Buckwheat — homegrown protection
Published 1:39 pm Wednesday, March 6, 2019
He causeth the grass to grow for the cattle, and herbs for the service of man: that he may bring forth food out of the earth…Psalm 104:14
Recently, my attention has been focused on buckwheat, the grain that used to be very popular in this country. I for one enjoy eating buckwheat pancakes and have found that I usually have more energy after eating this type of pancake more than the white-floured kind. According to “The Doctor’s Book of Food Remedies” by Selene Yeager and the Editors of Prevention Health Books, buckwheat, or kasha, as the roasted form of the grain is called, is popular in Japan and some researchers suspect that this may partially explain the country’s remarkably low cancer rates.
Buckwheat contains a variety of compounds called flavonoids that have been shown in studies to help block the spread of cancer. Two compounds in particular, quercetin and rutin, are especially promising because they appear to thwart cancer in two ways. These substances make it difficult for cancer-promoting hormones to attach to healthy cells. They can literally stop cancers before they start. The rutin in buckwheat plays another protective role. Working with other compounds, it helps prevent platelets—the components in blood that assist in clotting — from clumping together. By helping to keep blood fluid, buckwheat can play an important part in any heart-protection plan. There’s another way in which the rutin in buckwheat can help keep blood flowing. It appears to shrink particles of the dangerous low-density lipoprotein (LDL) cholesterol. This makes them less likely to stick to artery walls, further reducing the risk of heart attack or stroke. Rutin has also been reported to stabilize blood vessels and check excessive fluid accumulation in the body. This may help lower blood pressure and with the risk of heart disease.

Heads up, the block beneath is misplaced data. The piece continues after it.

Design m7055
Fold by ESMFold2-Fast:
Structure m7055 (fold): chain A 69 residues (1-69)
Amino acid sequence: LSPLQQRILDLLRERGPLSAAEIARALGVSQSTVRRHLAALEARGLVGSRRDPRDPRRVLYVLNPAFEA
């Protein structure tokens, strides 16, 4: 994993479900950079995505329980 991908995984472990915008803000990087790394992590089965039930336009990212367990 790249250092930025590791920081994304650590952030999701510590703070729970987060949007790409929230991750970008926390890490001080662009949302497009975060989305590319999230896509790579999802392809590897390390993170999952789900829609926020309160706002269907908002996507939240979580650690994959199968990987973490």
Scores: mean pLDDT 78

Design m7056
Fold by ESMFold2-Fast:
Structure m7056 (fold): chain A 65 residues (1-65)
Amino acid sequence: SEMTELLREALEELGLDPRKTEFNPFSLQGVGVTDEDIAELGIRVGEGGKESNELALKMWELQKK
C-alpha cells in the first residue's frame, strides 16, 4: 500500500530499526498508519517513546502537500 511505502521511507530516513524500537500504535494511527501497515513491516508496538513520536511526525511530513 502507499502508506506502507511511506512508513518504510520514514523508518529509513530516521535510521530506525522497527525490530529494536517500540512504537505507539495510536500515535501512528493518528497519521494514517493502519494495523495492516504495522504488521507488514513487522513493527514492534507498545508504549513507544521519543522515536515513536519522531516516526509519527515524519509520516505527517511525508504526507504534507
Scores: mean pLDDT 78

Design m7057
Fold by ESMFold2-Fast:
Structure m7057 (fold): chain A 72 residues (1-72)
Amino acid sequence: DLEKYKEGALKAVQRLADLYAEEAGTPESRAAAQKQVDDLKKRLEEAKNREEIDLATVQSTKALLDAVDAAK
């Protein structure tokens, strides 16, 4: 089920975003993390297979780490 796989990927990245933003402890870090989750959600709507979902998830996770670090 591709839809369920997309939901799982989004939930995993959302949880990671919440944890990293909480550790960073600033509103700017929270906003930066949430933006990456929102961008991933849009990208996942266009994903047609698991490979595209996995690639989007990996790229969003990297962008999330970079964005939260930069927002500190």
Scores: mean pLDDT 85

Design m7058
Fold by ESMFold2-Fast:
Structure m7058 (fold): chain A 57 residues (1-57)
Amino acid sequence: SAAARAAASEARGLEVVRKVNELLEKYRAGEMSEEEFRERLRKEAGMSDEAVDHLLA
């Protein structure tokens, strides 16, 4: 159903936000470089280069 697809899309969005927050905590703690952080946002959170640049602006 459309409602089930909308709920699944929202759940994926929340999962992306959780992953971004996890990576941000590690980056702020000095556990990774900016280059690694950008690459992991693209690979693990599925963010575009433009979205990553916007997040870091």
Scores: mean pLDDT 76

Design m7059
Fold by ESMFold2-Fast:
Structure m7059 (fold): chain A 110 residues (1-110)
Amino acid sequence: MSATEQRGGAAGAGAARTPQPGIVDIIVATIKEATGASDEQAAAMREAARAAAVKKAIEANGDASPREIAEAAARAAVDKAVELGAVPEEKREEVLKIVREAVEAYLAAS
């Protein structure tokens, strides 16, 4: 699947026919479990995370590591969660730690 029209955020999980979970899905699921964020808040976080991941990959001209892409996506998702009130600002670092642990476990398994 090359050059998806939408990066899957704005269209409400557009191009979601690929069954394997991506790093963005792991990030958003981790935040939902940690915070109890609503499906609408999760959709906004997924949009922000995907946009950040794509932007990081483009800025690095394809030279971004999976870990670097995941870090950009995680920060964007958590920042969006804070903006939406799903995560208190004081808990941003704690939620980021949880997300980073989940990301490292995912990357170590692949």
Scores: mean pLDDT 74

Another great reason to consume buckwheat, especially for vegetarians and others trying to cut back on meat is buckwheat is the best known grain source of high-quality protein. We need protein for everything from healing wounds to producing brainpower. Yet buckwheat protein does more. It helps lower cholesterol as well. One of the most valuable aspects of buckwheat is its ability to help control blood sugar levels in people with Type 2 (adult-onset diabetes), the most common form of the disease. The carbohydrates in buckwheat are digested more slowly than other types of carbohydrates. This causes blood sugar levels to rise more evenly. Also, don’t forget buckwheat if you or someone you know has celiac disease because buckwheat is free of gluten and of course it needs to be organic.
So, I say let’s have some good old buckwheat pancakes with real maple syrup or maybe molasses.
Until next time!
Alice Russell, also known as “Me Me,” re-sides in the Randolph/ Saxe area. She can be reached at letstalk- email@example.com.